According to the venerable “Fannie Farmer Cookbook,” the best way to learn about eating crab is to go to a Baltimore crab house and ask for instructions from the waiter. But if a trip to Baltimore fails to materialize, you can get a pretty good introduction to shellfish at the Crab House & Rotisserie in Camarillo.
With its hearty green plants, polished wood, white linen and butcher paper on the table tops, the restaurant manages an ambience that is both festive and accommodating. A family with young children can be as comfortable here as a party of unmarried celebrants.
A long, decorative bar is topped with ice-filled glass cases that hold raw oysters. Be sure to try them with the zesty mustard horseradish sauce. And note that the Crab House, which also calls itself a tavern, offers 10 kinds of imported vodka and 20 premium beers, including Oatmeal Stout and Taddy Porter. The bar also concocts fantasy ice cream and liqueur drinks.
Some of the best food on the menu comes in appetizer form. The spicy, succulent Anaheim chile, stuffed with Dungeness crab and goat cheese, served on a bed of salsa ($6.50) was a splendid combination. So was baked goat cheese with garlic ($3.95), the cheese melted on toast and the garlic roasted in the bulb until only sweetness remained and it was soft enough to spread.
Boston clam chowder was a small bowl of pure comfort food--thick, buttery, hot, and smooth, with no distractions save for little chews of clam. A bowl of steamed clams (at a dollar a pop) was also satisfying.
While the name Crab House & Rotisserie may conjure up the odd image of crabs being roasted on a spit, the rotisserie here is strictly for the birds--chickens, that is. These vary from a very basic chicken that relies on this cooking technique for its moist appeal, to a garlic chicken that will make garlic lovers think they’ve gone to heaven. The only chicken that gave me pause was the Jamaican jerked chicken, which someone may have confused with jerky, as it was salty enough to take backpacking.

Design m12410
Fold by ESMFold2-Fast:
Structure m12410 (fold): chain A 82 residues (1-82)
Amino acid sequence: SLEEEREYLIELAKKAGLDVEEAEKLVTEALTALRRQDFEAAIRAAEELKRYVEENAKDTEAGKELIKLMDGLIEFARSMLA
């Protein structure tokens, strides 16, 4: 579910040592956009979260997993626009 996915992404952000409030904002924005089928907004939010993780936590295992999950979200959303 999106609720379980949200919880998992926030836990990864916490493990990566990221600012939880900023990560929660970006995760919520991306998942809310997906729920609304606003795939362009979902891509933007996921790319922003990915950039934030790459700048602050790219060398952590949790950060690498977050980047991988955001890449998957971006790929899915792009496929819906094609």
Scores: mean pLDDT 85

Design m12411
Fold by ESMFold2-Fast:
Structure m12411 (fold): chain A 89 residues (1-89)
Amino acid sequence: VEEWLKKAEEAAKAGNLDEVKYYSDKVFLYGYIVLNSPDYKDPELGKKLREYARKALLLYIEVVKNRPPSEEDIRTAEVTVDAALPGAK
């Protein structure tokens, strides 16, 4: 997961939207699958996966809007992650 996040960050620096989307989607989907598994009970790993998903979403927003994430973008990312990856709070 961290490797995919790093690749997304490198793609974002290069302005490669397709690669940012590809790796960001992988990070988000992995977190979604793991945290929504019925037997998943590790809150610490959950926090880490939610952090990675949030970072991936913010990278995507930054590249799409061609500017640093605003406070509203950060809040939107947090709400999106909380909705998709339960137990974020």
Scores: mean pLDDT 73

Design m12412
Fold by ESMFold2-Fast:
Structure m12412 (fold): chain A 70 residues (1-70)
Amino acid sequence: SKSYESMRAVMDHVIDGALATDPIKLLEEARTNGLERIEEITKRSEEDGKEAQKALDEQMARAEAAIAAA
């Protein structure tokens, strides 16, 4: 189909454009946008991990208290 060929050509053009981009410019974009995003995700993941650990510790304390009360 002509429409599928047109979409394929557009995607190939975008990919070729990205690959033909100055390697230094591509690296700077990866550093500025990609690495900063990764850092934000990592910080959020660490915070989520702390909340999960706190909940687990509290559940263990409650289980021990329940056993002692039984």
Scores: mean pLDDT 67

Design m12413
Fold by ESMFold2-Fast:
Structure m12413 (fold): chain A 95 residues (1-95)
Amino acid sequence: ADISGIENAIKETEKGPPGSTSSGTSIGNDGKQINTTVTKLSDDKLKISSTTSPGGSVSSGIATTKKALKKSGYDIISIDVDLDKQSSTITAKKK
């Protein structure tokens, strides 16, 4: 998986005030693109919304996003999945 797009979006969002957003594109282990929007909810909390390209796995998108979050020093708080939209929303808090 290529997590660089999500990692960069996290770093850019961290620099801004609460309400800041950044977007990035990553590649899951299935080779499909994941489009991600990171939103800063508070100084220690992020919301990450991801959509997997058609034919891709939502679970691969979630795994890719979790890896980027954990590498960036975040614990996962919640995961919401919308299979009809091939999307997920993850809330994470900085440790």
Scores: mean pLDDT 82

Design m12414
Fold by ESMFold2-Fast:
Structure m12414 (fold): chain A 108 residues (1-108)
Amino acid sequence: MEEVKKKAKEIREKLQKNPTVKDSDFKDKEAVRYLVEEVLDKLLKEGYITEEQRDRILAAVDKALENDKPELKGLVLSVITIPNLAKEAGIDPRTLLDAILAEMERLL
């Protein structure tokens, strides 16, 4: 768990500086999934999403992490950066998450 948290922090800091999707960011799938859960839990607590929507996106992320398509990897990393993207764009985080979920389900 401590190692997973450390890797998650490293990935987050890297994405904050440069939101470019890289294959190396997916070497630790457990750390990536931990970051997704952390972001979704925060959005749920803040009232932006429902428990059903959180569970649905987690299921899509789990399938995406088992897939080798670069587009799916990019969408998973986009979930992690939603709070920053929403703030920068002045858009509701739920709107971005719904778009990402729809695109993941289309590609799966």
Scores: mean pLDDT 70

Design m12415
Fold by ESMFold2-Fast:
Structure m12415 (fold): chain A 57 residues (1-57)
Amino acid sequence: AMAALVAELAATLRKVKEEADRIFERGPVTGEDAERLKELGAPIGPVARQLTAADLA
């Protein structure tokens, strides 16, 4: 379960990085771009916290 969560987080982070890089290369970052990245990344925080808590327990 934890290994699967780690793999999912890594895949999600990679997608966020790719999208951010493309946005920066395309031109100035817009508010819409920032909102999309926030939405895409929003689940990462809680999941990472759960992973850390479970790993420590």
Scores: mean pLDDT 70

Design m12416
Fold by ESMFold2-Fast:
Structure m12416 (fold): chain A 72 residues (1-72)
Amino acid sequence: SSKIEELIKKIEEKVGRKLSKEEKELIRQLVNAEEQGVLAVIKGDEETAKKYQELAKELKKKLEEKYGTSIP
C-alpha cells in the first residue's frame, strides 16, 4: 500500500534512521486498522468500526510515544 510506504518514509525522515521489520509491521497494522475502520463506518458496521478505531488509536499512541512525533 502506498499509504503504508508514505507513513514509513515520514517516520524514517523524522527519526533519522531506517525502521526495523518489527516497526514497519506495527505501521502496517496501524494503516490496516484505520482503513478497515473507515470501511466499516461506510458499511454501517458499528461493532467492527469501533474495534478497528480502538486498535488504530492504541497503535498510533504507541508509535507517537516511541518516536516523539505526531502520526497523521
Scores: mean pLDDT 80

I was surprised not to find a crab Louis on the menu, but they do offer a small wedge of iceberg lettuce as one of their salads. They also make a strong vinaigrette of cucumber, tomato and oregano salad and an excellent coleslaw--creamy and sweet, just the kind that belongs in a fish restaurant.
In its attempt to please its public, the Crab House serves a number of all-you-can-eat specials, and offers all kinds of combinations--lobster and crab; ribs and chicken; chicken and crab; steak and lobster. A mixed grill of steak, chicken and lobster ($15.95) came with mounds of pleasing pan-fried potatoes and included a respectable showing from all three meats.
Of the three kinds of crab served here, they seem to run out of the Dungeness the quickest. I got a taste of it in the crab cakes, which were chewy with crab meat--also spicy, greasy and sinfully delicious.
I’m not sure why anyone would want the snow crab. Coaxing the flesh out of its amazingly delicate legs is a Sisyphean task, and the meat tends to absorb too much salt. However, the Alaskan king crab legs were among the sweetest, most tender shellfish I’ve ever enjoyed and they practically slid out of the shell on their own. A couple of these legs, sprawled across a large plate, not only provided a small feast but a sense of awe at what comes out of the sea.
Lobster, fresh from Maine, was cooked to order, sweet and tasty.
Desserts such as macadamia nut mud pie are for sharing--even with the next table. Our tower of chocolate brownie, ice cream and hot fudge slumped under the weight of its castle of whipped cream. Sturdy bread pudding was more sedate, hot and homemade, with cinnamon and raisins and a sweet, warm sauce. I don’t think we would have enjoyed them quite as much in Baltimore, either.
* WHERE AND WHEN
The Crab House & Rotisserie, 350 N. Lantana, Camarillo (805) 987-4979. Open for lunch and dinner, Monday-Friday, 11 a.m.-9 p.m. Saturday, 4-9 p.m. Sunday 1-9 p.m. Full bar. Visa, MasterCard, American Express accepted. Dinner for two, food only, $25-$80.